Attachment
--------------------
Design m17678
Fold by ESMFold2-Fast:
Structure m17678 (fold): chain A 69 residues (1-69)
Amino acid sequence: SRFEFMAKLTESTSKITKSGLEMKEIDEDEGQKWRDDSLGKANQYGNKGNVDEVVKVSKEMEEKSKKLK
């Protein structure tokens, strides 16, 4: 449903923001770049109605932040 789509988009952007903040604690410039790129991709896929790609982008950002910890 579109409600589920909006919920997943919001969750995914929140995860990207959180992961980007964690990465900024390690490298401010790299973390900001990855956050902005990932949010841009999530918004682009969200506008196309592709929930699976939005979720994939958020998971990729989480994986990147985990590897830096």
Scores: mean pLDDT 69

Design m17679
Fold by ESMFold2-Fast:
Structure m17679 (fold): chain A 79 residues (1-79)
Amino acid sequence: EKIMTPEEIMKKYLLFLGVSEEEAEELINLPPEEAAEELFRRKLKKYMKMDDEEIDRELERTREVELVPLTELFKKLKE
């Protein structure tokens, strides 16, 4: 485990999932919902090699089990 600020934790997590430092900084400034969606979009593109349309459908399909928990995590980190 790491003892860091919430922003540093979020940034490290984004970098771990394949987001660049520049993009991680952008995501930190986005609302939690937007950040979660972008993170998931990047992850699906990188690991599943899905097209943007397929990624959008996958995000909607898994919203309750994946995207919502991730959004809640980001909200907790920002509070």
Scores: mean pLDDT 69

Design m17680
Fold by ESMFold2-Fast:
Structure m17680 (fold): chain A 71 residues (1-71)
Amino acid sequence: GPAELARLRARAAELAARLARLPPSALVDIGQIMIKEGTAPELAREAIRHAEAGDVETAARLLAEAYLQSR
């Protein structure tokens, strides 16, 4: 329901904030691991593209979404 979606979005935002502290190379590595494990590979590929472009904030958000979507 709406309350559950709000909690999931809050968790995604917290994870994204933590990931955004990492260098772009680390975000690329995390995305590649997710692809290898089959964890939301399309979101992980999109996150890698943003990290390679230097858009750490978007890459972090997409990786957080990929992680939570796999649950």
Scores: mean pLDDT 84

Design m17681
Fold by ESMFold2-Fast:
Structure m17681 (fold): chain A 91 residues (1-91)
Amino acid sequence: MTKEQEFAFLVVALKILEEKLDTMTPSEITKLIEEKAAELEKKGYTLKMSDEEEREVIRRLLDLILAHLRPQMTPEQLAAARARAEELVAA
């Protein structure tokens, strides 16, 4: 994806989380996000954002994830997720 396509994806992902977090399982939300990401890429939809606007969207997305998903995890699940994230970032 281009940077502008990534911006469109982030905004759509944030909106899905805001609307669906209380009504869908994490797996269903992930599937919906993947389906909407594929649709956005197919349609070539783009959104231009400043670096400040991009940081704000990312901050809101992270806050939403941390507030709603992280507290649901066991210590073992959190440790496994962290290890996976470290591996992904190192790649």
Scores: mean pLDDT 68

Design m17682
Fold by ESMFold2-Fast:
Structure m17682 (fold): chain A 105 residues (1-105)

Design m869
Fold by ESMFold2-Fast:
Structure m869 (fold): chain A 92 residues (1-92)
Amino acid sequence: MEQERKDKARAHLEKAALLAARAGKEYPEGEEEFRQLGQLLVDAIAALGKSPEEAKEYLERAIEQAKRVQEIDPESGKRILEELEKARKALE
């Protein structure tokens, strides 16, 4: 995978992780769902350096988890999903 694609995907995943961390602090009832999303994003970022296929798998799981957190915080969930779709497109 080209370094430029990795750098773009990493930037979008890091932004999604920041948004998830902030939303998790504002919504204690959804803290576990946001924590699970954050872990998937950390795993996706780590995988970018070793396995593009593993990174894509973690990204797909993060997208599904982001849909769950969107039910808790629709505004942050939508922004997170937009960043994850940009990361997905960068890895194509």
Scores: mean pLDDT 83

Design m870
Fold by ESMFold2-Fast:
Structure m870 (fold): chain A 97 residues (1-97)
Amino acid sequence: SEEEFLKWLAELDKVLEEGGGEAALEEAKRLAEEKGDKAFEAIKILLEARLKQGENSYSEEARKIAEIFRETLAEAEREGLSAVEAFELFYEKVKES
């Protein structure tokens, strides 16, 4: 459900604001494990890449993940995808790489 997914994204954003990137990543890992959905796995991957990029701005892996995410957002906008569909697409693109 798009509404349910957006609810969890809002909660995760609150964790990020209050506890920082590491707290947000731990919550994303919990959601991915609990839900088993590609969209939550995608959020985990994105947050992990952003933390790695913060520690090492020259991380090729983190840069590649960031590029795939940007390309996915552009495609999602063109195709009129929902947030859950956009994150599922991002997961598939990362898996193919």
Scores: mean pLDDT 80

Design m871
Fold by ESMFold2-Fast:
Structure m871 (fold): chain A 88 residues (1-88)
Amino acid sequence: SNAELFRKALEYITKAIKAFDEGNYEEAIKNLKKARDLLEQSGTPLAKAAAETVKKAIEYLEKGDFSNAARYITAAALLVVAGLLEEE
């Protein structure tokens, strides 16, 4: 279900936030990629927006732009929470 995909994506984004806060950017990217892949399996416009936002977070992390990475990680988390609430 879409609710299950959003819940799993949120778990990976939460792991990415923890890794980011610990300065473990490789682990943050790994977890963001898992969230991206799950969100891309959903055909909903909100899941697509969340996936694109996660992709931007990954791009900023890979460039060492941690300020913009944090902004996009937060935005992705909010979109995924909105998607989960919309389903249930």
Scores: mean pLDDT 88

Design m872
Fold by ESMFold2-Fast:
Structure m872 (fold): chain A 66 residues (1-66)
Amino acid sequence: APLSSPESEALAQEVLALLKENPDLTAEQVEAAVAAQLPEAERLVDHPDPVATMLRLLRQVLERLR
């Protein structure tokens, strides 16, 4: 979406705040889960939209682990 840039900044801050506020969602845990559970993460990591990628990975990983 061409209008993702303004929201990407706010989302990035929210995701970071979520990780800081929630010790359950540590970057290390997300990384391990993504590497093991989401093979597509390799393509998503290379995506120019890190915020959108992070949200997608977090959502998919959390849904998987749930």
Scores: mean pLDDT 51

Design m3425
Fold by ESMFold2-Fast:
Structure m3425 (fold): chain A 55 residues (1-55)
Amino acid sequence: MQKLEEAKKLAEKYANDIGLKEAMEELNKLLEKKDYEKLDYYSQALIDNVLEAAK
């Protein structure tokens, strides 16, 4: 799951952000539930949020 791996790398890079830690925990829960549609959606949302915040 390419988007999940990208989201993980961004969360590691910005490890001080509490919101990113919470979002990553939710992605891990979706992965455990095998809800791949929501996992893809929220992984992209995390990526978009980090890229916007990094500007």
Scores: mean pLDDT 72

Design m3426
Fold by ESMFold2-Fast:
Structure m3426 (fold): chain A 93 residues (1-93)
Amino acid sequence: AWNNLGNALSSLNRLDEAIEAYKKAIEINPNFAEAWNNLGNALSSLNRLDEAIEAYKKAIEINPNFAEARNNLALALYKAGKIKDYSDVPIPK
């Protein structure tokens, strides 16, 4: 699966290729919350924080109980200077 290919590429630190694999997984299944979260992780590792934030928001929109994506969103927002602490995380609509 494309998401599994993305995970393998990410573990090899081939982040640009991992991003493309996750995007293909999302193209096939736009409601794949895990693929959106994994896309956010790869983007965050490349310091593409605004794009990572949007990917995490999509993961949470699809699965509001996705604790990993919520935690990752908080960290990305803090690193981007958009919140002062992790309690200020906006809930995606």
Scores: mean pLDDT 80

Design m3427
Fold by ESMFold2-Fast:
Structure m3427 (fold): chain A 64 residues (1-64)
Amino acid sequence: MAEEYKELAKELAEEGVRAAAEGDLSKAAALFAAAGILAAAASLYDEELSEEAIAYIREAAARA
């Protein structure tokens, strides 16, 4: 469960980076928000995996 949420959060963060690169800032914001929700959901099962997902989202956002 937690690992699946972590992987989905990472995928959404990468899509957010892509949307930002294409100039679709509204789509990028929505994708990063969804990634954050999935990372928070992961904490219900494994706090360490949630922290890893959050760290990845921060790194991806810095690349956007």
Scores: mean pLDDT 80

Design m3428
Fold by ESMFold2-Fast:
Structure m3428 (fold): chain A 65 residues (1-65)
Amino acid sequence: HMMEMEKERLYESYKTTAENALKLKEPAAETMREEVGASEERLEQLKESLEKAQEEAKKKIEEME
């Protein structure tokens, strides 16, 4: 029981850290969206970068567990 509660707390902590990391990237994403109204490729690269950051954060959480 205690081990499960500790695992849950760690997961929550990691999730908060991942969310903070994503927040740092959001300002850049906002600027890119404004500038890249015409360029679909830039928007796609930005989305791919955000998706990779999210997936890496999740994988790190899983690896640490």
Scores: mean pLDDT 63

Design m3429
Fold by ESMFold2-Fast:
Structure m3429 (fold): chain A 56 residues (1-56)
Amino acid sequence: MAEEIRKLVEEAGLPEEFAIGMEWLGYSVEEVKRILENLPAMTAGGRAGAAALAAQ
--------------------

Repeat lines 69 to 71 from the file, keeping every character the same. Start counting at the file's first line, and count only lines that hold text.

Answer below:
Scores: mean pLDDT 80

Design m3428
Fold by ESMFold2-Fast: